As a matter of fact, the Polish leaders involved in the conflict accepted (half-heartedly) the set of piecemeal conditions required by the Entente Commission. However, the Ukrainian leaders rejected these conditions and, automatically, ended the previously agreed Polish-Ukrainian truce. As a consequence, the Ukrainian armed forces on March 10th, 1919 started a new offensive to occupy the city of Lviv which soon collapsed – just after ten days. In essence, that became a real turning point in the 1918−1919 Polish-Ukrainian War over East Galicia and the making of a final border between newly re-established Poland and newly to-be-formed Ukraine. Nevertheless, from mid-March 1919, the Poles took military and political initiatives over the Ukrainians. Basically, it became obvious that the Ukrainian side would lose the war against Poland concerning East Galicia and the city of Lviv. During the night between April 14/15th, 1919, the Poles launched a successful attack resulting in Lvov not firing at the city with Ukrainian artillery fire. The Polish offensive was so successful that in May 1919 Poles took several other East Galician cities (Stanislawów in Polish or Ivano-Frankivsk in Ukrainian) – that was at that time the headquarters of the Ukrainian political and military authorities.

At the very beginning of June 1919, West Ukrainian military detachments were in control of only some areas of East Ukraine. What happened, was that pressure by the Entente Commission on the Polish side was renewed to stop further offensive, and the bilateral truce negotiations between Poland and Ukraine were renewed. Nevertheless, West Ukrainian leaders did not respect the truce agreement and suddenly started an offensive on June 7th, 1919 with the result of recapturing some areas of East Galicia from the Polish side. Therefore, Poles blamed Ukrainians for the prolongation of the military conflict in and over East Galicia to such an extent that Entente states were compelled to send a commission to the city of Lviv to investigate serious complaints about crimes committed against the civil population in the city, in fact, by both sides. The commission finally did not find relevant evidence of Polish war crimes but, on the contrary, a lot of war crimes were perpetrated by the Ukrainian side. What is of probably crucial importance to emphasize here is the fact that the commission found a very enthusiastic reception of the Polish troops by the city dwellers as liberators against the terror of the “Ukrainian bands”.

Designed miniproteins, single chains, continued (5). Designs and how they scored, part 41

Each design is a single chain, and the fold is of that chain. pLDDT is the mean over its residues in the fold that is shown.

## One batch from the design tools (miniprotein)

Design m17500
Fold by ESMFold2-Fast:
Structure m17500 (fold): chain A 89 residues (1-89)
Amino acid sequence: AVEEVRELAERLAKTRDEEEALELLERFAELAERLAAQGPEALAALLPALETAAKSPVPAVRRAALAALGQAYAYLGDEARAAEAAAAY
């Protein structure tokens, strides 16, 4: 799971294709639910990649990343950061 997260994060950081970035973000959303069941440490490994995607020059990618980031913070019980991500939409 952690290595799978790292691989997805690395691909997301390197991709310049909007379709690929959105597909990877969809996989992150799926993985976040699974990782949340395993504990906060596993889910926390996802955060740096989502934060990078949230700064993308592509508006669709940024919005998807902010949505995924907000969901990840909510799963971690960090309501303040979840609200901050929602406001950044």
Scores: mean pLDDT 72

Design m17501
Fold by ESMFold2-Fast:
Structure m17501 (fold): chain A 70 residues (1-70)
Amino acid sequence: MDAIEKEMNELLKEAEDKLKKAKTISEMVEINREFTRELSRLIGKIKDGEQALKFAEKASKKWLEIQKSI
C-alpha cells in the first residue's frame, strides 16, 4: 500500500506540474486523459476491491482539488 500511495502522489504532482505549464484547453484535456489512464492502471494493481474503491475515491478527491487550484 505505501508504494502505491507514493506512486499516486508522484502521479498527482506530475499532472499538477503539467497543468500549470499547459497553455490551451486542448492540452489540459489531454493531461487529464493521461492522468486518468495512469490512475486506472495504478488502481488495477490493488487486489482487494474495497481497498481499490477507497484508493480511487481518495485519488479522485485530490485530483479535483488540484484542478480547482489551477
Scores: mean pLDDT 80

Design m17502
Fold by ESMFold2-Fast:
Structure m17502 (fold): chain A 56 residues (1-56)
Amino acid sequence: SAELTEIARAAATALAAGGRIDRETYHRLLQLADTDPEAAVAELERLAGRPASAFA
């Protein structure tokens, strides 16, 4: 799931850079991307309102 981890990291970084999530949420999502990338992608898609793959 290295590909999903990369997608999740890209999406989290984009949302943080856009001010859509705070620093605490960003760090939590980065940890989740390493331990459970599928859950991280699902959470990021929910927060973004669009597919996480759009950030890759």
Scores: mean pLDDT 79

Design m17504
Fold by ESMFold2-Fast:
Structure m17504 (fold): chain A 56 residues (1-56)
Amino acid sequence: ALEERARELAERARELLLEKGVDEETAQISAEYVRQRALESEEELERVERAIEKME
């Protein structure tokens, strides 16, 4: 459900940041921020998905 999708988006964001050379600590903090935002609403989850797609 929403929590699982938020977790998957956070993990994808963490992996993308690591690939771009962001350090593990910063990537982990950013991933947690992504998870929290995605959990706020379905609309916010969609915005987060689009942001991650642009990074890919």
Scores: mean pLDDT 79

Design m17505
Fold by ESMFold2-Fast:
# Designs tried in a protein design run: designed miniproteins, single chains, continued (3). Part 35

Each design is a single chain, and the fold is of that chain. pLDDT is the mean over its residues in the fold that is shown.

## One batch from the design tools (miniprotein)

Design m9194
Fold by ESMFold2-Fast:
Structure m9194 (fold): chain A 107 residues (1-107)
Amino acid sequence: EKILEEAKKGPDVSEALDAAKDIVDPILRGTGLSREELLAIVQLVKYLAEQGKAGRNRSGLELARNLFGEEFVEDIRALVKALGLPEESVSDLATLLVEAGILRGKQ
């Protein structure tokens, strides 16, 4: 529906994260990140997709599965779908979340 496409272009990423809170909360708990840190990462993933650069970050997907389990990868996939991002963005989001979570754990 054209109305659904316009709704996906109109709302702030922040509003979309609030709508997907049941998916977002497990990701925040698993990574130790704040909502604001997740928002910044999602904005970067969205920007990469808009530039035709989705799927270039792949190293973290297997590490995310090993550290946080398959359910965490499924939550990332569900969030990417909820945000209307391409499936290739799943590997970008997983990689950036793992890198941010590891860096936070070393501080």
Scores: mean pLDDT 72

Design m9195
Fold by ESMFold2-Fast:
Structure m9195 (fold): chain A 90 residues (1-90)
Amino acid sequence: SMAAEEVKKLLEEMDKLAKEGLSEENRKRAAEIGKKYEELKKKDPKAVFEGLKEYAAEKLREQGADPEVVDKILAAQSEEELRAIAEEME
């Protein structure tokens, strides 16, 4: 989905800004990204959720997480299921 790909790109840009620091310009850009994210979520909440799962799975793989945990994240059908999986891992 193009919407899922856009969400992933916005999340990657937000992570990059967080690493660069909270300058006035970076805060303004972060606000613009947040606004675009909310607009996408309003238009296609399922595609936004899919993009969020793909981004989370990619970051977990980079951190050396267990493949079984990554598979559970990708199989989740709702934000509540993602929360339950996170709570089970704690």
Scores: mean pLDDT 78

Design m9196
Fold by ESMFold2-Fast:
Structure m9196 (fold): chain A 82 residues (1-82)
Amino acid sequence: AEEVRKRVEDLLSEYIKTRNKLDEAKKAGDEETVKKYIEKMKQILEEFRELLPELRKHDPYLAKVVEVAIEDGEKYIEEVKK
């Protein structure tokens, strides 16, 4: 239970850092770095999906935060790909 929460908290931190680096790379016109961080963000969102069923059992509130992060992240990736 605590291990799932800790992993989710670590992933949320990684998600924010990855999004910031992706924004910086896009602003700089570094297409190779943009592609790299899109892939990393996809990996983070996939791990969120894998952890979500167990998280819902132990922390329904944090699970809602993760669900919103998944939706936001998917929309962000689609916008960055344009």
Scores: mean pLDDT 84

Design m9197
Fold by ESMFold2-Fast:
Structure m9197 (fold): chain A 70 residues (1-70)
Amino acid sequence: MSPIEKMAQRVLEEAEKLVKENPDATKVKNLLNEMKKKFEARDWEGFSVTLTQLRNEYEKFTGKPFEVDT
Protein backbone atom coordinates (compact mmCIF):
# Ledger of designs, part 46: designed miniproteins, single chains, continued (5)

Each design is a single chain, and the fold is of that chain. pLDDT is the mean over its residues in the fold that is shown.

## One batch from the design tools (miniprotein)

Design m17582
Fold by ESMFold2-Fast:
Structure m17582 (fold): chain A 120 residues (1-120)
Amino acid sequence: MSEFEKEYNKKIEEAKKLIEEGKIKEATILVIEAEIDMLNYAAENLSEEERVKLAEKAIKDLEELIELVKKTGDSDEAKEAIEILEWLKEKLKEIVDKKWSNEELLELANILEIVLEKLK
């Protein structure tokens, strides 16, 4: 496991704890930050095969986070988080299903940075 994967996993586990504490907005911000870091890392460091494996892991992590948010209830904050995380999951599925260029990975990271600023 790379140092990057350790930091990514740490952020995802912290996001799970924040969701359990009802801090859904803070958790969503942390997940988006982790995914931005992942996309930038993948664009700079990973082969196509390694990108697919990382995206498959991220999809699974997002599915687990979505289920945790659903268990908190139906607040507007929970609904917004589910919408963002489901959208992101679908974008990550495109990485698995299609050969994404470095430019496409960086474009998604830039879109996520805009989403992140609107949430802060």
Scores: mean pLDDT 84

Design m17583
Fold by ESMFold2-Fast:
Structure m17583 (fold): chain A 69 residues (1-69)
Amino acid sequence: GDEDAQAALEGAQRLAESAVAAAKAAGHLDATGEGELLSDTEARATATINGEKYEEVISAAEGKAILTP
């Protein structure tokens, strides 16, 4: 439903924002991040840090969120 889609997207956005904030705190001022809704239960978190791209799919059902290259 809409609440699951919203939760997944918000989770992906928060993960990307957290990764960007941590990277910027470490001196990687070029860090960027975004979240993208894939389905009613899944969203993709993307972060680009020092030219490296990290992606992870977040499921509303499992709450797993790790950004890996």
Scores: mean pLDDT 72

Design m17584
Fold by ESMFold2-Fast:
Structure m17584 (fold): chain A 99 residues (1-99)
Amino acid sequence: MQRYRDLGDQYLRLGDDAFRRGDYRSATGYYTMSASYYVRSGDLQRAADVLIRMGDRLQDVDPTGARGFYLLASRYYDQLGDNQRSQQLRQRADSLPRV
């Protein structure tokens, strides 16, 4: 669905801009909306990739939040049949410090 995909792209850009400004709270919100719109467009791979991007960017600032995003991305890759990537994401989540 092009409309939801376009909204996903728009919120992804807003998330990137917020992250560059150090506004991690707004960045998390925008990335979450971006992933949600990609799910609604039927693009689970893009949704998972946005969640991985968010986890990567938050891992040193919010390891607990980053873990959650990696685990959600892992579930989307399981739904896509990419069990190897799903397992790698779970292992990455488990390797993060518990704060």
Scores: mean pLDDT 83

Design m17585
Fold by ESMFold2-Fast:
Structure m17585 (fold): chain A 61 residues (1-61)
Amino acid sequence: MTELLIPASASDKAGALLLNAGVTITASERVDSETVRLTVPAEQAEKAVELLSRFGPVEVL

The commission, comprising the representatives of the Entente powers, proposed that the whole territory of this region be occupied by the Polish troops in order to finally solve the problem of East Galicia. In fact, they consequently, included it in the post-WWI Polish national state. For that reason, the Council of Foreign Ministers in Paris on June 25th, 1919 gave open permission to the Polish government in Warsaw to launch a new military offensive in East Galicia for the final purpose of expelling all West Ukrainian military detachments from the region and occupy it completely. It was agreed that the Haller Army (armed in France) was to be sent to Poland and deployed in the struggle against the communist units. For Eastern Galicia, autonomy had to be given within Poland, and the final decision on the status of East Galicia would be decided by referendum (organized by the Polish authorities).

Finally, the Polish army led by Piłsudski himself, on July 2nd, 1919 started its decisive military attack against West Ukrainian military troops and succeeded in expelling them from the complete territory of East Galicia. On July 18th, 1919, the forces of West Ukraine, composed of some 20,000 soldiers, crossed the Zbruch River and entered the territory of the Ukrainian People’s Republic and the destiny of East Galicia was decided in favor of Poland up to WWII.